- Everyone feels lonely sometimes.
- Lonely is not the same as alone.
- I am not alone.
- Today is the day.
- I have people who care about me.
- I can share my problems.
- It is ok to ask for help.
- There is nothing wrong with making mistakes.
- Making bad choices does not make me a bad person.
- I can control my emotions.
- I know when to control my emotions.
- It is ok to be overwhelmed by emotions sometimes.
- Nobody is good at everything.
- I am no more valuable nor any less valuable than anyone else.
- My feelings are valid.
- I am allowed to be upset.
- I do not have to hide my feelings.
- Today will be a positive day.
- I am a positive person.
- I choose to think positive thoughts.
- Problems have solutions.
- Being strong means knowing when to ask for help.
- There is no such thing as a “real” man/woman.
- I deserve my success.
- My hard work has made good things happen.
- I do not have to be good at something to enjoy it.
- Everyone has their own, unique value.
- If friends do not like my personality, I need to find new friends.
- Changing who I am for other people will not make me happy.
- Changing who I am because I want to be a different person is a good thing to do.
- I do not need the approval of other people.
- I will not be pressured into doing things I do not want to do.
- Today is a day that I will be strong.
- I will not do things I know to be wrong, just to “fit in.”
- I will stand up for other people.
- I will be true to myself.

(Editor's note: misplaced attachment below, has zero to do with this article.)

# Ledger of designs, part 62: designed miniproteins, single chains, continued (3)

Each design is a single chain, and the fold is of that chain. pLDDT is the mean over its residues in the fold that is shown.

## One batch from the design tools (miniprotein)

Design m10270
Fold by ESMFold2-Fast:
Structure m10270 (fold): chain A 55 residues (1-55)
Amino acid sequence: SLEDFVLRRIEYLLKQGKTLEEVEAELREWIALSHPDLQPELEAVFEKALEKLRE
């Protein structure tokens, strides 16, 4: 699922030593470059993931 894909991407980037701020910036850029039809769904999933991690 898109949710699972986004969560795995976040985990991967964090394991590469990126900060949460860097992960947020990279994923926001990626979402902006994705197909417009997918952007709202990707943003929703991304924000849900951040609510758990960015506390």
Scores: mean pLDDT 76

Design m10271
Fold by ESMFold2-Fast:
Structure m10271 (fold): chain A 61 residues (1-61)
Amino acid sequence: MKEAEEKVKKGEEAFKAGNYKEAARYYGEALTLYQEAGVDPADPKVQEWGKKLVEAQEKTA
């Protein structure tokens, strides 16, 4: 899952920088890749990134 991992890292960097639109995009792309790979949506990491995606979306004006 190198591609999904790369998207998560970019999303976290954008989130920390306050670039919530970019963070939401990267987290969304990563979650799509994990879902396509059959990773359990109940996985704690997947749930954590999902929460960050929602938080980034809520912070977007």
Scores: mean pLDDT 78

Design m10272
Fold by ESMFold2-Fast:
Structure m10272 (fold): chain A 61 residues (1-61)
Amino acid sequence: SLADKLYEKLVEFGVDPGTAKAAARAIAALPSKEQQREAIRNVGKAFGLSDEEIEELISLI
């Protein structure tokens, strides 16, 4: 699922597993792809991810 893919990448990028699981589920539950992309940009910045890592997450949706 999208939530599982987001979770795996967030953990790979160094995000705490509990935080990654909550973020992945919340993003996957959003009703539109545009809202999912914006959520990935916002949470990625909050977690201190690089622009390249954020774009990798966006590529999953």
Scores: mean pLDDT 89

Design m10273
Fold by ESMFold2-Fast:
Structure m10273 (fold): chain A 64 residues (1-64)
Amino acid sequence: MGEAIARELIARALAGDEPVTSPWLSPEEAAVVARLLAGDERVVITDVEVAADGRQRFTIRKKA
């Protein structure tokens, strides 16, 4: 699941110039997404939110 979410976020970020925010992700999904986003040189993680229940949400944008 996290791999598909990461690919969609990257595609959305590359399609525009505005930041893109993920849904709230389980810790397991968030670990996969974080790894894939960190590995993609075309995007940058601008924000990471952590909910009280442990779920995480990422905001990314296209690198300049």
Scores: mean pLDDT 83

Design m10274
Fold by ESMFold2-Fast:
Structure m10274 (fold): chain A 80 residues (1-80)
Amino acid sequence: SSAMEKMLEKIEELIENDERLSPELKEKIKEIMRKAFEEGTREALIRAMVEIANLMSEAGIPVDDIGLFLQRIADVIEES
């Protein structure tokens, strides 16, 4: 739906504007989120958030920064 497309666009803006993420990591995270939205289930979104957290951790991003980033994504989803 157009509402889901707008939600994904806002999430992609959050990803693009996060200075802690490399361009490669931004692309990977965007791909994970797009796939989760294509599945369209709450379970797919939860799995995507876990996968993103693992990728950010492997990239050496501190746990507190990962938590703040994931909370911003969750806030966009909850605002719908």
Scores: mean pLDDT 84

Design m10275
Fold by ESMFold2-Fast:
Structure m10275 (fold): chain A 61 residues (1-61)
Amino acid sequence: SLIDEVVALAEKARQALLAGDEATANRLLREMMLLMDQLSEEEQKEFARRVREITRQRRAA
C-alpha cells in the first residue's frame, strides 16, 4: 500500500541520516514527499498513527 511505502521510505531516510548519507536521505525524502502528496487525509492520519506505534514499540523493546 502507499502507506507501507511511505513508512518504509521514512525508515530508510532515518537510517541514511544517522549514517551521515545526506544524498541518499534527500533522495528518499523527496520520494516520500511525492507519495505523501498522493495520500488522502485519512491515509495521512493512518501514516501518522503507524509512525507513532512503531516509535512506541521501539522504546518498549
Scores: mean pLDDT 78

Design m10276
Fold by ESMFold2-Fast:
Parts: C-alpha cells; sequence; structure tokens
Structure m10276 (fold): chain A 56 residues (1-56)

- I will be true to my values and beliefs.
- Problems are challenges by another name.
- I do not have to be a leader.
- I am a leader.
- Happiness is a balance between what I want and considering other people.
- I am a role model for others.
- I will make someone else happy today.
- Difficulties do not last forever.
- I will point out the good in the day.
- I will write down the things for which I am grateful.
- Doing nothing is a choice I will not make.
- I will not set aside who I am because others want me to.
- I will help other people achieve their goals.
- I will support my friends in their positive choices.
- True friends are not afraid to tell each other the truth.
- Today I will be successful.
- I can work through this.
- Good things happen when you work hard.
- Bad days happen for everyone.
- I can get over this.
- It is not the end of the world.
- A setback is not a step back and I will move forward again.
- I enjoy learning new things.
- I can learn in the way that is best for me.
- There is a role for me in the world.
- I do not have to achieve perfection.
- I trust my inner voice.
- I can be relied upon to do the right thing.
- Everyone has a different pace and I can work at mine.
- Things do not make me happy.
- My attitude is my choice.